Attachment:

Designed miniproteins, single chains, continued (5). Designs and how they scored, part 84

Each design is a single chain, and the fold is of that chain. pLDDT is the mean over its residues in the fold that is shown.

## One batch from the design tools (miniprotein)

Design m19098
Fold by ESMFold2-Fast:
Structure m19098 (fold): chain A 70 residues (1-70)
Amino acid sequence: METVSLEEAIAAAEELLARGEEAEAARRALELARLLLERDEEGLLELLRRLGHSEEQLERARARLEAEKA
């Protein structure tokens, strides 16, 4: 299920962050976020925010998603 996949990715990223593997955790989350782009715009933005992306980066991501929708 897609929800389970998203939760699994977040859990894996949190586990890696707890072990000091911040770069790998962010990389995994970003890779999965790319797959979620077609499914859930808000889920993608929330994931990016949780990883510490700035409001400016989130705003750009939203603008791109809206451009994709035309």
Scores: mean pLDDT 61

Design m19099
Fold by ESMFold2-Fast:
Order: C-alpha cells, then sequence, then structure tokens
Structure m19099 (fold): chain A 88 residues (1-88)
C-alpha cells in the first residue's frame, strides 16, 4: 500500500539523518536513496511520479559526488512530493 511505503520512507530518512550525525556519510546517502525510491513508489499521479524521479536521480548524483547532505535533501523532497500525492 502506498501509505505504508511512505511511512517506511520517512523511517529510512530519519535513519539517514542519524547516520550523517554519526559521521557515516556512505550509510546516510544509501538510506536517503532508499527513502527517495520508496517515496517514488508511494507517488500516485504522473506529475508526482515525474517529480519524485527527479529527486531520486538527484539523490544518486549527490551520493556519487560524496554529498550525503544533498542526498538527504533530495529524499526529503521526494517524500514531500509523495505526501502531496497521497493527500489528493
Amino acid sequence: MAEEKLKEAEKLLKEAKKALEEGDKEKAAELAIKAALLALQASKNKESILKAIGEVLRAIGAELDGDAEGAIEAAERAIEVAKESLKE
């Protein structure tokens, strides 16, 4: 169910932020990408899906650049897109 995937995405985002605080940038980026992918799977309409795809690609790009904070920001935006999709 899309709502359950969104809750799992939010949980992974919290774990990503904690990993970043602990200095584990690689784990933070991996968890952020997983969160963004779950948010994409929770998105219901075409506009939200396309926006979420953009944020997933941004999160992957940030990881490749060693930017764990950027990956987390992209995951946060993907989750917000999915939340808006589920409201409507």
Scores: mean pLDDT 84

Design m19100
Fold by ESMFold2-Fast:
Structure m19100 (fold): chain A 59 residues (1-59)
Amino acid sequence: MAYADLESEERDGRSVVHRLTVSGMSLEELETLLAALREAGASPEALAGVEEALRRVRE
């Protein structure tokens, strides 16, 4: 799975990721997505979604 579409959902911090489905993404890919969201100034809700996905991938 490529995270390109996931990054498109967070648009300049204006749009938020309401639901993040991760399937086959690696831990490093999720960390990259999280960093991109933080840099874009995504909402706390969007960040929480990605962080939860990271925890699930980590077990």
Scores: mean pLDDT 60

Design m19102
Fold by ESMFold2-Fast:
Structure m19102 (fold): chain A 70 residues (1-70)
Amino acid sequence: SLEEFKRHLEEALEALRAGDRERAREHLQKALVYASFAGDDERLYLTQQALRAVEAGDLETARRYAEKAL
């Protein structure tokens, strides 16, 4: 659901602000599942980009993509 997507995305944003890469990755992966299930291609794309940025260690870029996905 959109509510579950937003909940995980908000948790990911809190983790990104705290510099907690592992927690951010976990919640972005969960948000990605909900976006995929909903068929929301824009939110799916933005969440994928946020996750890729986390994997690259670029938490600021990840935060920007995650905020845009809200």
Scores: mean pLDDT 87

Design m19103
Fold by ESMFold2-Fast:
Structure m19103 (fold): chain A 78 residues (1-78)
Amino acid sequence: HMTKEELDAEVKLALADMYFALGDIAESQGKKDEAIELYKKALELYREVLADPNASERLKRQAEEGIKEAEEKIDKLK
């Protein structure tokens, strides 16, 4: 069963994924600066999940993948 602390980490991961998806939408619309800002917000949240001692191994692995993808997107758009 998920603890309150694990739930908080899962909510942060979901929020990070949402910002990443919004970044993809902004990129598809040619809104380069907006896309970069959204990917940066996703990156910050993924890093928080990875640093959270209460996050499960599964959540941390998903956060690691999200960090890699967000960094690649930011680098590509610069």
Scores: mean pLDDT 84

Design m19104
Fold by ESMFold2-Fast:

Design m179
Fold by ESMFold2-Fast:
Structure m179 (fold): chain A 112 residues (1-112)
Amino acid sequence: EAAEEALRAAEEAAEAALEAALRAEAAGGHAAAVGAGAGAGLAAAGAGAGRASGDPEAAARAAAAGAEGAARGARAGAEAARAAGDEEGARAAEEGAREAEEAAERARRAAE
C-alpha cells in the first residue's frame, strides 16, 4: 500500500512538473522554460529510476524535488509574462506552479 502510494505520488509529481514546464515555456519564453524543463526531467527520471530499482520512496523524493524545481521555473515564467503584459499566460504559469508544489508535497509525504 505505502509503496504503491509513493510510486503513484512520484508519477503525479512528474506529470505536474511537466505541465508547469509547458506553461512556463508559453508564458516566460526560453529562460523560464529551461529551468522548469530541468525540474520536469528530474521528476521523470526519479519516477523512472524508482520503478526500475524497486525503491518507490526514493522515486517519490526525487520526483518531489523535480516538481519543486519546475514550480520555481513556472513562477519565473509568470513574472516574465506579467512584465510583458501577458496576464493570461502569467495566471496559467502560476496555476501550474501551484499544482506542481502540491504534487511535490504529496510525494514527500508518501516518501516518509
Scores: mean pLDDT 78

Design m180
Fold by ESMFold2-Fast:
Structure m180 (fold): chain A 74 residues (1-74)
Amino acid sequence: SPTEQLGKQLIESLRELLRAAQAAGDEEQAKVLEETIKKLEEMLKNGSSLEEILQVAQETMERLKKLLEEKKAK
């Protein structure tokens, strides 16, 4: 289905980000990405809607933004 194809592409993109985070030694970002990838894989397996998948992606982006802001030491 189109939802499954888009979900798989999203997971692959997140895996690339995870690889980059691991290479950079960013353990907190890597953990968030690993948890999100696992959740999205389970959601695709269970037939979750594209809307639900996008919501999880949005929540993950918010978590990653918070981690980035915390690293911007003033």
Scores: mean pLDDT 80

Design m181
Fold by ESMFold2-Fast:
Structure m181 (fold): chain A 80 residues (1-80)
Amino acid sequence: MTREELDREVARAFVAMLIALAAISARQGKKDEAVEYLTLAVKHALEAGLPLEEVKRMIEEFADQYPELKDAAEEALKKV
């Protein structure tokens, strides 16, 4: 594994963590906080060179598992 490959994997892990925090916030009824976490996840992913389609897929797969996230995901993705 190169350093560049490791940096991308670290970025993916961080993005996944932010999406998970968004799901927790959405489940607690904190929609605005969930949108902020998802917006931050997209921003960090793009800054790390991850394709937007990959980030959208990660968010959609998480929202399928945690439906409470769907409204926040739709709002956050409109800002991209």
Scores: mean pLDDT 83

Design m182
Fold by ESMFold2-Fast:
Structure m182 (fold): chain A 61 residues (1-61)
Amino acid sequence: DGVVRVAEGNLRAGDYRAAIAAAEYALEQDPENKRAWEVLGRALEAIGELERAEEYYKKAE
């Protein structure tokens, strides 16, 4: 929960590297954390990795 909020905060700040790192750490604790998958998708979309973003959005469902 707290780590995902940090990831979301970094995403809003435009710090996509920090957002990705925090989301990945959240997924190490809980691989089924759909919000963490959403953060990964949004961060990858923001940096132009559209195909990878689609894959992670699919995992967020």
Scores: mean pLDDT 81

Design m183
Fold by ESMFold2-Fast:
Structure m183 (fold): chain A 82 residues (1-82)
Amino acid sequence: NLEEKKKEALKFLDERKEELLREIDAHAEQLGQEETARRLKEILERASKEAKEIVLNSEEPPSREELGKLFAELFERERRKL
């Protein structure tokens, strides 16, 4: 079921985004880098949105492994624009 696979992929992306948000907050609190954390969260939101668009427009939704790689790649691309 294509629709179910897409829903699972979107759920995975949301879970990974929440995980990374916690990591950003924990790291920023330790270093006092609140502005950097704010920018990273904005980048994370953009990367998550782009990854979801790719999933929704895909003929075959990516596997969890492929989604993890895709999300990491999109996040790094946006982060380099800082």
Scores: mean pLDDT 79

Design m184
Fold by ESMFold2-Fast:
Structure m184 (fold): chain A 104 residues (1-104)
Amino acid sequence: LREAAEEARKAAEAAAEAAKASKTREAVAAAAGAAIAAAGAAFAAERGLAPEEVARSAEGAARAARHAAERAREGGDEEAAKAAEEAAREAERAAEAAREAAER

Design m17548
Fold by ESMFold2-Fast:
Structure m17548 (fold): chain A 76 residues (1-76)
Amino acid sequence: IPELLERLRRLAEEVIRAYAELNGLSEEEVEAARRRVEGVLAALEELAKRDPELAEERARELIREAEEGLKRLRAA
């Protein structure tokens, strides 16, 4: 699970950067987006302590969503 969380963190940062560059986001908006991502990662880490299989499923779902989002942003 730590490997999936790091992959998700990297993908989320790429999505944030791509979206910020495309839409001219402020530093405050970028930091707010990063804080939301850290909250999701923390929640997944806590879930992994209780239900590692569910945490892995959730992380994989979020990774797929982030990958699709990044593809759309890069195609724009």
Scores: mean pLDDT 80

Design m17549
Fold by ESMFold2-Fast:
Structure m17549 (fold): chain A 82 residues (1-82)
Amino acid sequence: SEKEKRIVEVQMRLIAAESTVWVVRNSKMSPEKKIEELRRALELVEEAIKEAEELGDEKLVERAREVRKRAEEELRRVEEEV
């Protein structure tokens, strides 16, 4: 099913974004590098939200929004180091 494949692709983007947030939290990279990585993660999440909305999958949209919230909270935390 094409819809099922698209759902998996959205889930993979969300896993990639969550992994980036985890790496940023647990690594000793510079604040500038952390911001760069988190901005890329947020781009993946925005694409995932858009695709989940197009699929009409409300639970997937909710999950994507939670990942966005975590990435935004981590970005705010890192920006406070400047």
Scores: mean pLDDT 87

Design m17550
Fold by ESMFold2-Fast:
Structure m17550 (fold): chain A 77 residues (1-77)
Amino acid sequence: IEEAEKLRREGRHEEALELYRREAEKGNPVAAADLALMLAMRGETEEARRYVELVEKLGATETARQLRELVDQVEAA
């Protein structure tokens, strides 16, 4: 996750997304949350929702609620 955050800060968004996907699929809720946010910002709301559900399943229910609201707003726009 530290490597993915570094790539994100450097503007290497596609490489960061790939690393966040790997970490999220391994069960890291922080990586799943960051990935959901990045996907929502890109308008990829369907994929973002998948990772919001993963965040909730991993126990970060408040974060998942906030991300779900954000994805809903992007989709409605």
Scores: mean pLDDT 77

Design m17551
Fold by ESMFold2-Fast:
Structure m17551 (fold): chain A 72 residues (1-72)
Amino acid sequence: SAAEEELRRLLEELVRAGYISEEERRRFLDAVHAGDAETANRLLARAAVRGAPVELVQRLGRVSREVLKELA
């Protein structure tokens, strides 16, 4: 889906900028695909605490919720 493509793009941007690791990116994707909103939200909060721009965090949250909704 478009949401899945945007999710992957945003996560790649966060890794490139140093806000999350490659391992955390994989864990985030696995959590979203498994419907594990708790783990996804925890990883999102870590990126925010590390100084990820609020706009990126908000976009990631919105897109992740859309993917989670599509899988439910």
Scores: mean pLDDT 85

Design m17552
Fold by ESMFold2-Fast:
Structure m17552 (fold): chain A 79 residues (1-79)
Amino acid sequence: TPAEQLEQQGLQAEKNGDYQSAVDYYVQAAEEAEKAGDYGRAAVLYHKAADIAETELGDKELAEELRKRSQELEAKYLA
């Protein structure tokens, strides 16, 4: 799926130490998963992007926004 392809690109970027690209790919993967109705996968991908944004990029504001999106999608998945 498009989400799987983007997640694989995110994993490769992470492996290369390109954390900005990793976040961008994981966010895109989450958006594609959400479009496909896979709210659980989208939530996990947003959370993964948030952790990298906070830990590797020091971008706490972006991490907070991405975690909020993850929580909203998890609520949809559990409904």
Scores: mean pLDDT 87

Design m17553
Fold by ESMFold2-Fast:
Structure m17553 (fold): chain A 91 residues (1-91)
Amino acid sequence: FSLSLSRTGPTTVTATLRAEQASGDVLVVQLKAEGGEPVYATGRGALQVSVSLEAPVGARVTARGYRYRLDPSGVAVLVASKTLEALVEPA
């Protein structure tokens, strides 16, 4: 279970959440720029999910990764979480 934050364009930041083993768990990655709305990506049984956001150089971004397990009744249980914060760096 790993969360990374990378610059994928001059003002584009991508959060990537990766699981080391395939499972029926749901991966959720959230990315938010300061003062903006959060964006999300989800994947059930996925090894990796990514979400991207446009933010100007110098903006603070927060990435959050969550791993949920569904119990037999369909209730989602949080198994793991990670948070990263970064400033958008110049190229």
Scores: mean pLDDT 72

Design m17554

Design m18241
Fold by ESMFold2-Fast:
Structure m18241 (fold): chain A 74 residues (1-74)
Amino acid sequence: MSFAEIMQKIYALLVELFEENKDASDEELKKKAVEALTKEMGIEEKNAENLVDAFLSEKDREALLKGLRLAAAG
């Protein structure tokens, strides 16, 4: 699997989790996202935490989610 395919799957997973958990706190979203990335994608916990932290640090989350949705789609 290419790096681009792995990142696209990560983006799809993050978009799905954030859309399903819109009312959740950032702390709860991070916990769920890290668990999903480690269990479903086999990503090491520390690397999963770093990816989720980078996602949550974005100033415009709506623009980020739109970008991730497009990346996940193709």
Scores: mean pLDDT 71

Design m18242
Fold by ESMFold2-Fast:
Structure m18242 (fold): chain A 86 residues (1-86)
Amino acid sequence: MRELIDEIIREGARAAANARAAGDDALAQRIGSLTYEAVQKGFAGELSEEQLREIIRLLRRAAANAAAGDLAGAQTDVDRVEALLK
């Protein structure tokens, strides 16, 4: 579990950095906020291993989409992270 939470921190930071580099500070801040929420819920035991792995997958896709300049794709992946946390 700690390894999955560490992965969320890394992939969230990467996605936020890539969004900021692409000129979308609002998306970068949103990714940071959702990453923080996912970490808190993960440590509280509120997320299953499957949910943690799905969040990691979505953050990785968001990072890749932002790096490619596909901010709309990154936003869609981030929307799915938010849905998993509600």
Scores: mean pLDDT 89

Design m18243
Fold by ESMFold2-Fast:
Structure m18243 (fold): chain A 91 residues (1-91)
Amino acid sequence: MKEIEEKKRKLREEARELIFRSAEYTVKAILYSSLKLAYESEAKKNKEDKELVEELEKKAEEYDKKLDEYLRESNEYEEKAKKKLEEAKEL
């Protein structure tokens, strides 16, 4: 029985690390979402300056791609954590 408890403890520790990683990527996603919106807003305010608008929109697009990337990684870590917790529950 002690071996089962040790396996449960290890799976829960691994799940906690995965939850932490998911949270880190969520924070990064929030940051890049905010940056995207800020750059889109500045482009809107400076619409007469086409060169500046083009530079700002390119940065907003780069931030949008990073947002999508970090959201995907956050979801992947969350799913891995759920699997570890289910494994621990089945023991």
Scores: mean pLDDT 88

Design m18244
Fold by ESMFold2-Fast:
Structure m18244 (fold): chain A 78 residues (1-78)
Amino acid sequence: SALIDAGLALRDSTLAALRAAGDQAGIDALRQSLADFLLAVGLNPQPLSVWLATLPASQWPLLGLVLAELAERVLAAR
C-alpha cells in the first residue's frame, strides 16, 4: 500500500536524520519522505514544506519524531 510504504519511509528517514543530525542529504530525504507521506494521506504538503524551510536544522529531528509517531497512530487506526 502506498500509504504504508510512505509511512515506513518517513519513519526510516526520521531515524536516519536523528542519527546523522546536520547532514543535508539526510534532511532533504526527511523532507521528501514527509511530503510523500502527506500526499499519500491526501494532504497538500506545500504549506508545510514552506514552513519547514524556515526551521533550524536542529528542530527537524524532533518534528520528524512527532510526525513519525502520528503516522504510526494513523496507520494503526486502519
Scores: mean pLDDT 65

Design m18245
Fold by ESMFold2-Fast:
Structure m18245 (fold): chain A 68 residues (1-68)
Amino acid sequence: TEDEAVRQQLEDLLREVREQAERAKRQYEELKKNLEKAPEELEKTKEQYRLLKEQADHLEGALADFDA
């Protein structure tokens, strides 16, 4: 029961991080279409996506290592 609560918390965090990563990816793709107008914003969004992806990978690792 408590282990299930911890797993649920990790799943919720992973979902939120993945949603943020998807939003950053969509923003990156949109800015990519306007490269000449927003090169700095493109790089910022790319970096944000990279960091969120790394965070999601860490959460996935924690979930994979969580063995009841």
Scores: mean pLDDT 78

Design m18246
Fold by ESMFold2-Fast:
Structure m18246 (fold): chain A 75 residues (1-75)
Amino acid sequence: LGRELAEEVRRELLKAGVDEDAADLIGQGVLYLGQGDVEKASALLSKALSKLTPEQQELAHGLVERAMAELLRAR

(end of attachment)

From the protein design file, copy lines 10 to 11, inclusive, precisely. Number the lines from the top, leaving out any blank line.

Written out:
Design m19099
Fold by ESMFold2-Fast: